House Republicans might have a point about Obamacare's employer mandate—they just can't do much about it by suing the president.
The House is planning to sue President Obama (and, more to the point, the IRS) over delays in the health-care law's employer mandate. It took the first official step in that direction Wednesday, with a hearing in the House Rules Committee over a resolution to authorize the lawsuit.
As a whole, the legal world is pretty skeptical of House Republicans' plan, largely because legal experts from both sides of the aisle doubt the House can clear a key procedural hurdle.
But what if it can? Legal experts are much more divided over the strength of the underlying case against the administration's delays. Even some allies of the Affordable Care Act say Republicans have a solid argument that the delays were illegal, while others fear the case could strip future presidents of basic powers.
"I think it would make government unworkable," said Simon Lazarus, senior counsel at the liberal Constitutional Accountability Center.
Lazarus said delays in the employer mandate are no different from any other administrative delay in implementing new laws, which are myriad. The Supreme Court has previously ruled that federal agencies can use their own discretion about how they allocate their finite resources, and agencies are also generally able to phase in new requirements as a way of making life easier for regulated industries and taxpayers.
Arguing that Obama didn't have the authority to delay the employer mandate would implicate a host of other delays, Lazarus said.
He pointed to past instances in which the IRS has offered "transition relief" to phase in new reporting requirements. The Environmental Protection Agency has also slowed the release of new regulations while it gathered more scientific evidence and gave regulated industries more time to come into compliance—delays that benefited the business interests with whom Republicans are traditionally aligned.
"I don't readily see a way of distinguishing all of those things," Lazarus said.
But others aren't so sure.
Nicholas Bagley, a law professor at the University of Michigan, said Boehner's underlying complaint about employer-mandate delays seems to have some merit. Past examples of "enforcement discretion" aren't quite comparable to delays in the employer mandate, he said.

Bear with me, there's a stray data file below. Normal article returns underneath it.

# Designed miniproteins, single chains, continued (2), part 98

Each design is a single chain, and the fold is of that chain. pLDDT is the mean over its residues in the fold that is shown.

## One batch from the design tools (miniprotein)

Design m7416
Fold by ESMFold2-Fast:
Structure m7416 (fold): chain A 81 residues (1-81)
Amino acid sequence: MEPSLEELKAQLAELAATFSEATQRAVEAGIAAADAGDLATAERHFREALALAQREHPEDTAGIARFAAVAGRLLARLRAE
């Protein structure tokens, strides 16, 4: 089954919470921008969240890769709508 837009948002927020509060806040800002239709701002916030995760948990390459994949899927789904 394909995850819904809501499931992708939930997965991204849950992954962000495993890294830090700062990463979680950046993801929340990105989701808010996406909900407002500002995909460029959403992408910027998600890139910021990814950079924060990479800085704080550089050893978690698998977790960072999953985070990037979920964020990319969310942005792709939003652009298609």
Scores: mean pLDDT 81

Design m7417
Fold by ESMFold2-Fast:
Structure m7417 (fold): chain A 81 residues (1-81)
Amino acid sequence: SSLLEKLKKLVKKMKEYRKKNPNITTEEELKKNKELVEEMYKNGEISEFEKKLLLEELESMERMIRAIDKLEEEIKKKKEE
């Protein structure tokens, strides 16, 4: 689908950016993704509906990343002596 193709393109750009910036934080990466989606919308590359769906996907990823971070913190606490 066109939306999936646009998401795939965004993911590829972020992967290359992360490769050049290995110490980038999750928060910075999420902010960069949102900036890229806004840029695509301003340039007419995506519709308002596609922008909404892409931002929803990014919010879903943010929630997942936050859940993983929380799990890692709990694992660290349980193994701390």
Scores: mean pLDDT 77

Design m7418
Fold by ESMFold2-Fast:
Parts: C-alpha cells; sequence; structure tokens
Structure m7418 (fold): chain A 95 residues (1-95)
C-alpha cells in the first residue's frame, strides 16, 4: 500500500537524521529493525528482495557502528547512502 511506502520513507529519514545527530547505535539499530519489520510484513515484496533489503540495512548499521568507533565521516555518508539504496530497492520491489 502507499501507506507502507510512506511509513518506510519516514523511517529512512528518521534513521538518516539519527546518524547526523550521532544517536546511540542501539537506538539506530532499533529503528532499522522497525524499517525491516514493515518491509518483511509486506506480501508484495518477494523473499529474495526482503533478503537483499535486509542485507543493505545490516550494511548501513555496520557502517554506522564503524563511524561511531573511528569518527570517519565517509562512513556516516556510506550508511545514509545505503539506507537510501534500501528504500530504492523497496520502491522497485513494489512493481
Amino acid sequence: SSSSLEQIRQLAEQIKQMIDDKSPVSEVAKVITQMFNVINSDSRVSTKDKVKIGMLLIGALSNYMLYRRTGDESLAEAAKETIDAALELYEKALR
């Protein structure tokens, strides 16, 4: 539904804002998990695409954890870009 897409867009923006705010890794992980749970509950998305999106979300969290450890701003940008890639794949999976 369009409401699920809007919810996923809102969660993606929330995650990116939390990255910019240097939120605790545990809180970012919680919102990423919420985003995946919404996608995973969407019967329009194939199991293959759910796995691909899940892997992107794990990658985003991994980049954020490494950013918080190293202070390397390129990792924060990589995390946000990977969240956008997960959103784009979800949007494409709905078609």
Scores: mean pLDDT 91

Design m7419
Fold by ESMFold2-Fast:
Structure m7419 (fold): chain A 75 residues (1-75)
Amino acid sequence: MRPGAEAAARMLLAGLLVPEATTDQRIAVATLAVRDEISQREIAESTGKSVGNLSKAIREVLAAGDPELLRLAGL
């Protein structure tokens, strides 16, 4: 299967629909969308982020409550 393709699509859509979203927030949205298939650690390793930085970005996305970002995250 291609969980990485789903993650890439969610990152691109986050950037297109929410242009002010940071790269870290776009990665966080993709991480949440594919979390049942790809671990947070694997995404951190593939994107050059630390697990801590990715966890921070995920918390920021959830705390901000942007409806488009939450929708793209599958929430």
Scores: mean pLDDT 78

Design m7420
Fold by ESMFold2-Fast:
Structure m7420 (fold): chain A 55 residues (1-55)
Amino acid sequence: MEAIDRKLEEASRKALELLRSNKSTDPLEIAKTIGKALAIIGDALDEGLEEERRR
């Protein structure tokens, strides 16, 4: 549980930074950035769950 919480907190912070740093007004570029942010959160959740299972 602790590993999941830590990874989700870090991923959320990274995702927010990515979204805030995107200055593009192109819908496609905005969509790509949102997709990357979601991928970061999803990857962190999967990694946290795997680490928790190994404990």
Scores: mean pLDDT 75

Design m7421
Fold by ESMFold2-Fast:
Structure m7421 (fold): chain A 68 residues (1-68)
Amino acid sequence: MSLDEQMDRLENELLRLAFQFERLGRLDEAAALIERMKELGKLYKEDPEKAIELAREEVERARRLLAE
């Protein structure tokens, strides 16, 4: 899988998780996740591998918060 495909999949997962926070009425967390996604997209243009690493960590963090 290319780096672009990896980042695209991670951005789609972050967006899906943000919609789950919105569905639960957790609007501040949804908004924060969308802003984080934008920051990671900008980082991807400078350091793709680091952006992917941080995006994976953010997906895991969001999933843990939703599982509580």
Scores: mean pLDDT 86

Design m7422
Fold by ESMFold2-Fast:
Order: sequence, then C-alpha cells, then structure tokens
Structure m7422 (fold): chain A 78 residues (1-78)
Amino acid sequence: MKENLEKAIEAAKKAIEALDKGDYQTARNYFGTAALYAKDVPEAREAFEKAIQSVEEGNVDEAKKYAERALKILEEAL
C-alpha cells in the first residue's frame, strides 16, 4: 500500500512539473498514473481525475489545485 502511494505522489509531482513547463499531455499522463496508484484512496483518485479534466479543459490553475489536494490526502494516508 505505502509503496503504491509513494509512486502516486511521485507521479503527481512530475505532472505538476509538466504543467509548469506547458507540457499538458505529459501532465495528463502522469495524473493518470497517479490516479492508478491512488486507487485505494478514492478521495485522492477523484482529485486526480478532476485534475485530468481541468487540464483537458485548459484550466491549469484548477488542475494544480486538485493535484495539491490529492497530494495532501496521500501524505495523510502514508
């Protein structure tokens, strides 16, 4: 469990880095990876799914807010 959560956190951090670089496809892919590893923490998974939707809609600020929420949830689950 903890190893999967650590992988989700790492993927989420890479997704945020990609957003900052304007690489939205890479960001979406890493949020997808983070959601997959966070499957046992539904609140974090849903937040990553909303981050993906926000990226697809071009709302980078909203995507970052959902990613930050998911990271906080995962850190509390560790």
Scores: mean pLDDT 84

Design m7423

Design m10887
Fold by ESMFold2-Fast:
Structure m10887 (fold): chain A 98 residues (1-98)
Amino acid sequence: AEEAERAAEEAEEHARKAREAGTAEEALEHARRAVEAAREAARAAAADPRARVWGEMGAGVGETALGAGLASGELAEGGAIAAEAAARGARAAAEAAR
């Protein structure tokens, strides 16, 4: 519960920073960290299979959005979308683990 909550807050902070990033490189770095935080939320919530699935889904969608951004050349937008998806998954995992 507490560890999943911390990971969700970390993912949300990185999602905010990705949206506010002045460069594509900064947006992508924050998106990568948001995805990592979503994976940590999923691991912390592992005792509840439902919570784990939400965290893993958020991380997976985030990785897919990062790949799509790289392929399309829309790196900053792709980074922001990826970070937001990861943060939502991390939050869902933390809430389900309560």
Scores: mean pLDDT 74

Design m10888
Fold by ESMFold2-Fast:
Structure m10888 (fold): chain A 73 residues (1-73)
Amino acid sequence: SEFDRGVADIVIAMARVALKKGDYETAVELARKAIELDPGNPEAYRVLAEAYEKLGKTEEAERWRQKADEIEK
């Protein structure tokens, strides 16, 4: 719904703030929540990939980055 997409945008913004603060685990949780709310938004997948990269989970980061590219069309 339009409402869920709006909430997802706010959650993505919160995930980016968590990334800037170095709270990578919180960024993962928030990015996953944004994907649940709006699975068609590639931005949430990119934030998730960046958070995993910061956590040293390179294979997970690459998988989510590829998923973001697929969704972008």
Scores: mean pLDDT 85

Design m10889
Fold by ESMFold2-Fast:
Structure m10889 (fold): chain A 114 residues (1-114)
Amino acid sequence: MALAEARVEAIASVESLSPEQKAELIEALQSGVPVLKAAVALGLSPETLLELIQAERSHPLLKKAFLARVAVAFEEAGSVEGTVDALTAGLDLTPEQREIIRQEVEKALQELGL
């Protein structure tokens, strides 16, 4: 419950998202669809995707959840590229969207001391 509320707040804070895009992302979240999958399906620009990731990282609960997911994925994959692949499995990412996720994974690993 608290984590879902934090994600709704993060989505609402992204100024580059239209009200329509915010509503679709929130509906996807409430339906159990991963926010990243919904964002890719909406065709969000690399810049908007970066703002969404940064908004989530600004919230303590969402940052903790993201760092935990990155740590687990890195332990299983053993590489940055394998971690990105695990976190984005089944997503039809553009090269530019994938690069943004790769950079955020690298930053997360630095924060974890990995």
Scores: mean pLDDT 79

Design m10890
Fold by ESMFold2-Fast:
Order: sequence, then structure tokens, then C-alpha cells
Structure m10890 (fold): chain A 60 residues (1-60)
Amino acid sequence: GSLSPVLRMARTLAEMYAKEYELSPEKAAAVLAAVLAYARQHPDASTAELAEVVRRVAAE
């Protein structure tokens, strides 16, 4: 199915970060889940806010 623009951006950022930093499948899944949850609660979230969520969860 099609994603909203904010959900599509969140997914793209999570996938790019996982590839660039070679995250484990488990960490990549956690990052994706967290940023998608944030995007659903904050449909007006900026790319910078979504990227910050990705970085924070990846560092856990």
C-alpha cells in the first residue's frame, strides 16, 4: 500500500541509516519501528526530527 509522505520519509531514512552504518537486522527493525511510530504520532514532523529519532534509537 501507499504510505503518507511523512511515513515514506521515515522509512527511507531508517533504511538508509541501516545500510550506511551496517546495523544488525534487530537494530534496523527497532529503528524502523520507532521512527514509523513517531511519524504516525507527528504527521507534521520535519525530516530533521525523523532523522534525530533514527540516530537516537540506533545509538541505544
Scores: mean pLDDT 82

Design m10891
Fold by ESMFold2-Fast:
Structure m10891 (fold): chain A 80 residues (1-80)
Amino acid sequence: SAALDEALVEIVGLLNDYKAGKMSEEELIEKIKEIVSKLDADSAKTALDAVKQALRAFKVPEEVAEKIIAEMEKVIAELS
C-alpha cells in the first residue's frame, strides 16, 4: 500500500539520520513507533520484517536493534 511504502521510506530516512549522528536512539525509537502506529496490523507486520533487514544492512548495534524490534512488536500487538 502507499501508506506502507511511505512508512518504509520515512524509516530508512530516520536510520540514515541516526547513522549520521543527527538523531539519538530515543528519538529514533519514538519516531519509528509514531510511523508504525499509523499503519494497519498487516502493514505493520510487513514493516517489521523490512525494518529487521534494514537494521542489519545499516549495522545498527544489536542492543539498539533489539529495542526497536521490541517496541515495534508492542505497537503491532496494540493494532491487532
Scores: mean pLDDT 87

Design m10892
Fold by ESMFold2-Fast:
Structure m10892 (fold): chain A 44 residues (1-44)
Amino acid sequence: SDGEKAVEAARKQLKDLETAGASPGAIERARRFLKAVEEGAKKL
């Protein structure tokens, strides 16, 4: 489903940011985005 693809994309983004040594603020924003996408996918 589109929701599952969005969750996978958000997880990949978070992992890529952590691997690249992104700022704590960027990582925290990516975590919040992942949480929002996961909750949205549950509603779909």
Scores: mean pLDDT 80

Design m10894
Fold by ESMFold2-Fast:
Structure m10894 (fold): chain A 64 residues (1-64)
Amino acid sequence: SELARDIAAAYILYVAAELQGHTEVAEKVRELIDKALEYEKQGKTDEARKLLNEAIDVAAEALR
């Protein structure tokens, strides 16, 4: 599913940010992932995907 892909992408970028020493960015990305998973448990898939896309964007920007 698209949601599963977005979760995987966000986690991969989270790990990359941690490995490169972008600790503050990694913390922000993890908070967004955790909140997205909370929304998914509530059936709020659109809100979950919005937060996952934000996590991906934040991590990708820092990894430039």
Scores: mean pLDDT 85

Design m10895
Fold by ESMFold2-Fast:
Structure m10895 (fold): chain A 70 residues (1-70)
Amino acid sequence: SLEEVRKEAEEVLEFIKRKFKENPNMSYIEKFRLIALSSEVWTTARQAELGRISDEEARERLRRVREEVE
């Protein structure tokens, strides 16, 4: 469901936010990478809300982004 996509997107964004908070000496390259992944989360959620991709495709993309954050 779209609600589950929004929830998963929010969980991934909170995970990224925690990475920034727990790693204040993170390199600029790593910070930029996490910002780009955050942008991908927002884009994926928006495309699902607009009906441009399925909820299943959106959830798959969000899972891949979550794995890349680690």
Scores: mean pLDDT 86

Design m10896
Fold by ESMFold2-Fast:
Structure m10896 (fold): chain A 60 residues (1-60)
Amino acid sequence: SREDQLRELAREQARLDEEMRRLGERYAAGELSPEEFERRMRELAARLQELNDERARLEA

Bagley drew a distinction between agencies failing to meet their own deadlines versus ignoring statutory requirements.
The Affordable Care Act said employers have to provide health insurance to their employees or pay a fine, and that requirement took effect January 1, 2014. So, as critics of the delays see it, a tax liability kicked in January 1 and is in place today, even if the IRS isn't enforcing it.
The regulations EPA slow-walked didn't work that way, Bagley said: There, Congress directed the agency to write regulations, and new environmental standards didn't take effect until those regulations were issued. So, while it's true that EPA missed Congress's deadlines, it was a deadline imposed on EPA—not on the people EPA regulates.
"There's a big difference between an agency failing to hit a deadline for doing something on its own … and it's another thing altogether for an agency to waive a deadline for private individuals," Bagley said.
Lazarus, on the other hand, said the GOP is overselling the administration's actions. If it had said it never intended to implement a policy Congress passed, sure, that would be illegal, he said. But this was simply a delay—one designed to make sure the policy could be implemented well, in the long run.